Joshua Mohr is the author of the novels, Termite Parade (a New York Times Book Review Editor’s Choice selection), Some Things That Meant the World to Me (one of O Magazine’s Top 10 reads of 2009 and a San Francisco Chronicle bestseller), and Damascus, published in the fall of 2011 to much critical acclaim. Mohr teaches in the MFA program at the University of San Francisco.
Monkeybicycle: In your self-interview at The Nervous Breakdown, you asked “Is [Fight Song] really a retelling of The Wizard of Oz?” and answered “Loosely. I wanted to set The Wizard of Oz in a 21st century American suburb and see what happens.” What did happen in resettling this story in a 21st century American suburb?
Joshua Mohr: Hopefully, a lot happens. What I was mostly interested in is how narrative morphs, if and when we change the immediate setting the main characters. I have my Dorothy, Bob Coffen, traipsing down his metaphorical yellow brick road. He has his version of all the requisite supporting cast. For example, his tin man is actually a tin woman named Tilda, who runs a phone sex operation through a fast food joint’s intercom system. And there’s magical realism running throughout Fight Song, so both stories exist in a realm in which anything can happen. That was the most fun for me as a storyteller: never feeling bound by the real. Whatever my sick imagination could cook up, it was fair game in Fight Song.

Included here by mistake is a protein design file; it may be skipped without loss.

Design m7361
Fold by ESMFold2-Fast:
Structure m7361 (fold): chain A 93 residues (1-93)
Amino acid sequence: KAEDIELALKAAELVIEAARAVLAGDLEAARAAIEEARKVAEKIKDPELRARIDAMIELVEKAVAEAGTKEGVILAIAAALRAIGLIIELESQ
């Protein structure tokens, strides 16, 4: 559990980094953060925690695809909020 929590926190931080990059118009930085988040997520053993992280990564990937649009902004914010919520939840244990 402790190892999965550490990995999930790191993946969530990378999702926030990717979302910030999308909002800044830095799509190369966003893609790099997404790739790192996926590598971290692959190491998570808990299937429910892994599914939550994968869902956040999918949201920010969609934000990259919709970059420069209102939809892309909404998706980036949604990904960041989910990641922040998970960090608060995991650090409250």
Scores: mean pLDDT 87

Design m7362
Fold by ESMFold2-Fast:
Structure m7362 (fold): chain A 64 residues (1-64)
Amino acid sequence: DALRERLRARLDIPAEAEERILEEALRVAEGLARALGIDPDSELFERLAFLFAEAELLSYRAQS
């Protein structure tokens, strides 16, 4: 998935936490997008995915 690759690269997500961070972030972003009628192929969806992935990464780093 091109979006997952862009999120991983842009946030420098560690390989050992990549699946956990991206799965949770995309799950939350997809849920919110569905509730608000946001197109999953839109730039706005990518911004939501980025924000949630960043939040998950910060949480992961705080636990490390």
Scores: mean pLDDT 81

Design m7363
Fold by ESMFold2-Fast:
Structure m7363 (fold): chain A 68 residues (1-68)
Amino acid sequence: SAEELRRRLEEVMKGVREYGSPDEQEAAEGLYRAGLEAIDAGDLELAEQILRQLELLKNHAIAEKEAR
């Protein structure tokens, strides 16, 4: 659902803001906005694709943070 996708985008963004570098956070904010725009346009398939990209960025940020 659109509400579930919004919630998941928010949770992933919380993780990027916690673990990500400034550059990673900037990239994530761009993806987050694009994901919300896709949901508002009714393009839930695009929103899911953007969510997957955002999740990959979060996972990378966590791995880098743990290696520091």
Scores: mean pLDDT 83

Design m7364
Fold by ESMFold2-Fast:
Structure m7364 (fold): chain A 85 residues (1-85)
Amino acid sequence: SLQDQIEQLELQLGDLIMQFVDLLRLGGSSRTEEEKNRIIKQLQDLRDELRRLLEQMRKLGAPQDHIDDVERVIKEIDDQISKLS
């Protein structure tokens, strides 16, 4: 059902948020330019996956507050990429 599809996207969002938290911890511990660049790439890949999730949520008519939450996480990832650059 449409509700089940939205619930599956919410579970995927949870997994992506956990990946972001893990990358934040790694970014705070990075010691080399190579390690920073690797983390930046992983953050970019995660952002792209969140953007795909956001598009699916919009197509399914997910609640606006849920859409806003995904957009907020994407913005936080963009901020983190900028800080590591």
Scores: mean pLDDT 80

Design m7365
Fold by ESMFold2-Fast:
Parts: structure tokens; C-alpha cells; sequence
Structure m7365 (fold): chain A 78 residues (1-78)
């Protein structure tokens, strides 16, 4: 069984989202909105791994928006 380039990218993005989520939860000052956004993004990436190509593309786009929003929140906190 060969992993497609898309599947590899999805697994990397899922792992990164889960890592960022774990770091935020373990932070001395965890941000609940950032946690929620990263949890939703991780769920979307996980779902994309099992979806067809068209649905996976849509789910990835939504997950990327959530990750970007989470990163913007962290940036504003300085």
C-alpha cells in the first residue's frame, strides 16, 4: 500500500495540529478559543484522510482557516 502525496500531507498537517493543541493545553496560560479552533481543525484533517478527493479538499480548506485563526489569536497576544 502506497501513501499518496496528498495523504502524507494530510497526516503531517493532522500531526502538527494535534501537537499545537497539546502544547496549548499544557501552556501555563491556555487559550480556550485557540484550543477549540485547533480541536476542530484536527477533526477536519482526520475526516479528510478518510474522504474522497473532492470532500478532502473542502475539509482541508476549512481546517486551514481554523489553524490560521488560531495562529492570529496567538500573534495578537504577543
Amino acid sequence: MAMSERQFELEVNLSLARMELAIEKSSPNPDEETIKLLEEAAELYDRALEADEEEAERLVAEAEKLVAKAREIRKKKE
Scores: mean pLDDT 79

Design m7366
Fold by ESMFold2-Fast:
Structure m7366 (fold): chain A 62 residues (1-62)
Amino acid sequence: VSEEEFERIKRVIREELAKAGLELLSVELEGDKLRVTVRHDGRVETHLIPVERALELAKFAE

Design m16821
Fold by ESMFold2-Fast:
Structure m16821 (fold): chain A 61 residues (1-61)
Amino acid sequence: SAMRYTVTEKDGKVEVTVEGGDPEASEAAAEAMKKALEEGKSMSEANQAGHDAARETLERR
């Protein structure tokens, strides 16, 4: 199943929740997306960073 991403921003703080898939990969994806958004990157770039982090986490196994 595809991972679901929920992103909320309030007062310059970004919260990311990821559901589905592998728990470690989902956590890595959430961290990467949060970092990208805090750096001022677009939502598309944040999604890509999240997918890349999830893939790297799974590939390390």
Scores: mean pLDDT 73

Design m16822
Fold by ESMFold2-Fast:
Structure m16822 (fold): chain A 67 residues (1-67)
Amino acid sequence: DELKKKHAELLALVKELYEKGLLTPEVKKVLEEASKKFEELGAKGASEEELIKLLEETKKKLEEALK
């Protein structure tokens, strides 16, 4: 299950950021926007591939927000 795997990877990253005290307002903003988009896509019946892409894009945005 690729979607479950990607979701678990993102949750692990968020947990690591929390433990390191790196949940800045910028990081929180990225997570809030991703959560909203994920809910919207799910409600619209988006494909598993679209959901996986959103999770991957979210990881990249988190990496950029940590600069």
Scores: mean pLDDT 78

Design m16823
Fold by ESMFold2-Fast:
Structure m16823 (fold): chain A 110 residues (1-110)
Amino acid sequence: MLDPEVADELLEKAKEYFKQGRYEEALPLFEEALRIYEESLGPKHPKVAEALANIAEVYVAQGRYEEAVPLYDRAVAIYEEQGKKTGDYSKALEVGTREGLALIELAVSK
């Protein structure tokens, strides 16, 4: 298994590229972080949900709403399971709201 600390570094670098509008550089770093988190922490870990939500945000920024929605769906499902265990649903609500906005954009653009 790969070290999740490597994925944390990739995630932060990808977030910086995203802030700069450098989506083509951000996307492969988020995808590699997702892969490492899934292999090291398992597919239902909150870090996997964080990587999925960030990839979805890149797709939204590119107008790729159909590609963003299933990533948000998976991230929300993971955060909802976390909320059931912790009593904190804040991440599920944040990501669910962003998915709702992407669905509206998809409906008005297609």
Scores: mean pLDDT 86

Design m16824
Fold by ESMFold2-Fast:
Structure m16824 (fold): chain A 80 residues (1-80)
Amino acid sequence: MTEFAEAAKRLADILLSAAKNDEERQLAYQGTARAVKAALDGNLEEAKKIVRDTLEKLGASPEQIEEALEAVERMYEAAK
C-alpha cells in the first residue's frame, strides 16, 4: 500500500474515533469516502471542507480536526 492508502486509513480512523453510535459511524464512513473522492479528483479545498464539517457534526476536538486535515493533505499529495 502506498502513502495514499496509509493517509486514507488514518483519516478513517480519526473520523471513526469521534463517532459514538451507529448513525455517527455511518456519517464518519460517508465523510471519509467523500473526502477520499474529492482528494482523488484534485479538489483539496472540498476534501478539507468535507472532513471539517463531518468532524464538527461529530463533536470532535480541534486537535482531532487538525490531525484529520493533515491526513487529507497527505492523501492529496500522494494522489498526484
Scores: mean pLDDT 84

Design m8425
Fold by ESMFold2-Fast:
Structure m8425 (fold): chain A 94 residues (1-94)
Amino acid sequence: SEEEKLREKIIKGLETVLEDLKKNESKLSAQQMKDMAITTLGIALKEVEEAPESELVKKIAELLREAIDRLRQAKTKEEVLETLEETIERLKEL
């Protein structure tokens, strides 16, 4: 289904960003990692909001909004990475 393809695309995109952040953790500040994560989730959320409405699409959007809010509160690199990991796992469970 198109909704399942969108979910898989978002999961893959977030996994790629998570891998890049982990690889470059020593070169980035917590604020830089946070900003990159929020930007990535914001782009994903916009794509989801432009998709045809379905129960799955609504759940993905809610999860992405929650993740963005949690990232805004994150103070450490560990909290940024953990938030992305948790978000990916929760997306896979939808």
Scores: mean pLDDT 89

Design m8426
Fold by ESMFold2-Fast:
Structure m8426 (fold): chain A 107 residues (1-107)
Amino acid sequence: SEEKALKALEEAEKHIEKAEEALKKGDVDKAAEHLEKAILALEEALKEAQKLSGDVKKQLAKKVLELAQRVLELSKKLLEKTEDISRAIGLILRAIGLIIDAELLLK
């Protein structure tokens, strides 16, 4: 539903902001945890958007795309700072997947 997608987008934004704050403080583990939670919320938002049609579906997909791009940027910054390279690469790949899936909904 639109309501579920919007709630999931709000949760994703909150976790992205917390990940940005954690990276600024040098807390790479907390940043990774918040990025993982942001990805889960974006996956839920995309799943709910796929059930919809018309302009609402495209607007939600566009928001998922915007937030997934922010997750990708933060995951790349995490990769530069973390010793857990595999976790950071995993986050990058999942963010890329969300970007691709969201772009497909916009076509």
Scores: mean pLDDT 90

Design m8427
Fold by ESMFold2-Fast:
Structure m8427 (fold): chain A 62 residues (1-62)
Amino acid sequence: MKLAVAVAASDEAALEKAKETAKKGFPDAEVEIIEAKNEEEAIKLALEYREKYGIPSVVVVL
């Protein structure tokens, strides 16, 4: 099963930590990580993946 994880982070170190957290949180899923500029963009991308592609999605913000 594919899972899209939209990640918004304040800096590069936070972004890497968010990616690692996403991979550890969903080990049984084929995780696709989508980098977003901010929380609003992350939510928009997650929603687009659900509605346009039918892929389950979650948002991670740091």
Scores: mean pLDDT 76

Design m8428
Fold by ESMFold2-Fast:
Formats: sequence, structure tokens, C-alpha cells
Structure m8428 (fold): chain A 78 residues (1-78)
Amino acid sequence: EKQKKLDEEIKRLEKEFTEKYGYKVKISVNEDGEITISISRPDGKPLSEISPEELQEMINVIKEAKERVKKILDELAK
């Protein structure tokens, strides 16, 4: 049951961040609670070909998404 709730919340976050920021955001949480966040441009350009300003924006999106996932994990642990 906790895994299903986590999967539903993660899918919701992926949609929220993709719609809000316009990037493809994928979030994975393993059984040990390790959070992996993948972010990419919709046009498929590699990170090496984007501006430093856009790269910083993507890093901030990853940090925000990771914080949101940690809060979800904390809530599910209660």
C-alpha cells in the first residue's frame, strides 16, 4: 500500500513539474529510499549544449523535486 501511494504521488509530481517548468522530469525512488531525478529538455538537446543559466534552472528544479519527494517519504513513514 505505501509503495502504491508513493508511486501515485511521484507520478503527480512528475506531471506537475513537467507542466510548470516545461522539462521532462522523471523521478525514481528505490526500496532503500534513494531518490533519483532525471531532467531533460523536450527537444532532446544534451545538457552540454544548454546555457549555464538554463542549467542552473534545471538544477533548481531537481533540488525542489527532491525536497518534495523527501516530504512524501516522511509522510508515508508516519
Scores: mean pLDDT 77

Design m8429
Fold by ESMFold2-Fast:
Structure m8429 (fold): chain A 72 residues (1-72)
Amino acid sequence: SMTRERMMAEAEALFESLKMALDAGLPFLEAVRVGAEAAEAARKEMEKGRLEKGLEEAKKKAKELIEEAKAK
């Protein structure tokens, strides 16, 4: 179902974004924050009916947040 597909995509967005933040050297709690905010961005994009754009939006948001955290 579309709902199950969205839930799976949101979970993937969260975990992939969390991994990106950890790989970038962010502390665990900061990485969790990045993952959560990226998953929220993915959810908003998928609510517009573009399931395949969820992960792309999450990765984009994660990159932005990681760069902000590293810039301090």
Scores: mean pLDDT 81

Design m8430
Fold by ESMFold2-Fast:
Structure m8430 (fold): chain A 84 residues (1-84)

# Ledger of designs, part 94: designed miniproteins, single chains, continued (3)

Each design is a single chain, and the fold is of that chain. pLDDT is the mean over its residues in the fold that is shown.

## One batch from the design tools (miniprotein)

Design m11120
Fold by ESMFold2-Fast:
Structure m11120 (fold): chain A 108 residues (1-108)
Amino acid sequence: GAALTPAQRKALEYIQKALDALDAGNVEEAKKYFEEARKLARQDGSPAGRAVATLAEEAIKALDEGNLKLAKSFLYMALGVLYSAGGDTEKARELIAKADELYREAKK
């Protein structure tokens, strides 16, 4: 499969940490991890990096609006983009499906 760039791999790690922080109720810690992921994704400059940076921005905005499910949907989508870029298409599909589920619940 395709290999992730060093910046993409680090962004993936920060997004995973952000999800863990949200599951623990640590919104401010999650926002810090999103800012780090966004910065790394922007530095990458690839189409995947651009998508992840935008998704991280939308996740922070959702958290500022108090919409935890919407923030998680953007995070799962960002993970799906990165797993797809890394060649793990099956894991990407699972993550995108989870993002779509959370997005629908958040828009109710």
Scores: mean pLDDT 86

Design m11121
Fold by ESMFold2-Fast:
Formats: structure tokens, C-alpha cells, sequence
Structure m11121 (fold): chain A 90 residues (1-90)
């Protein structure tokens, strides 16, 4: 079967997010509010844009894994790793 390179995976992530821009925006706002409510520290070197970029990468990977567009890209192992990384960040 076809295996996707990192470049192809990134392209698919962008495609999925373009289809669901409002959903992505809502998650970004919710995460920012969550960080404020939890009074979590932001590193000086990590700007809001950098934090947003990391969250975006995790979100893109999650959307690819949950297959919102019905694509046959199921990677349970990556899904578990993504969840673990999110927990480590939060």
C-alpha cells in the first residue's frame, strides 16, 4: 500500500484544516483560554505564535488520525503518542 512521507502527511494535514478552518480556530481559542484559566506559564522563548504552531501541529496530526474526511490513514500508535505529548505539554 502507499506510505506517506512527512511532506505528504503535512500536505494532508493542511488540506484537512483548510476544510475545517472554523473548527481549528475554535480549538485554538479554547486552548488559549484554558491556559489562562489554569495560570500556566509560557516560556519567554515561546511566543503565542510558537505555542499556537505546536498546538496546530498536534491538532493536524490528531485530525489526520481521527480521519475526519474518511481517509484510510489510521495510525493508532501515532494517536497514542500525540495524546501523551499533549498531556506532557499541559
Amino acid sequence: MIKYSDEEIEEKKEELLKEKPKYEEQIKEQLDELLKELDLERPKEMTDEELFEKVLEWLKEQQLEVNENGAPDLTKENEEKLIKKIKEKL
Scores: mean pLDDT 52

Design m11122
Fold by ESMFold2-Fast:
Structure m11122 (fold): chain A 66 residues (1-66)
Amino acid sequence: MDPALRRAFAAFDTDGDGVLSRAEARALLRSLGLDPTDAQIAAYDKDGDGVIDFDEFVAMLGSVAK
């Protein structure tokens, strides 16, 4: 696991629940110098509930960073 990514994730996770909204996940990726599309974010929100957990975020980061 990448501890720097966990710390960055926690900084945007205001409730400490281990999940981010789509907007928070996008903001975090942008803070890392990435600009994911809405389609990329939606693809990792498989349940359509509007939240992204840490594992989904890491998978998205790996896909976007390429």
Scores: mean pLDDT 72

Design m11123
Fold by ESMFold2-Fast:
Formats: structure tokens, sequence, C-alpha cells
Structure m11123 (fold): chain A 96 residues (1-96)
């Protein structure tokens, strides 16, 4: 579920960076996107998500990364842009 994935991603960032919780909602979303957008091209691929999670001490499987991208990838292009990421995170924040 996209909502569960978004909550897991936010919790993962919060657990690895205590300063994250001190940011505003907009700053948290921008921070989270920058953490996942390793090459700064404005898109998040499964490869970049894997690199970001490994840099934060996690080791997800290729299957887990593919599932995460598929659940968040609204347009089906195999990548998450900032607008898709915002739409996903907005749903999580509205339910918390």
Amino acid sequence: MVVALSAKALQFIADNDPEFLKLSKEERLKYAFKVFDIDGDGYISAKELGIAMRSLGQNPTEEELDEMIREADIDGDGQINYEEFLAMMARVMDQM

Mb: And while we’ll likely see the apparent Wizard of Oz connections (e.g. the rainbow, the cowardice, the banding together of disparate individuals), what other “loose” elements might we have missed because they are more restrained or understated?
JM: Hmmm. Not sure if I want to decode them all. The quest is the most crucial aspect. Dorothy is literally trying to get back home. Bob Coffen is trying to find his way toward his “home,” his lost sense of self. He’s so personally unhappy that he can’t be a very good husband, a giving father, a thoughtful employee. He’s so stagnant that all he can do is perpetuate that ferocious cycle. He’s let himself go in every definition of the word. Fight Song puts pressure on him to snap out of his haze and take some responsibility for how he’s allowed his world to curdle.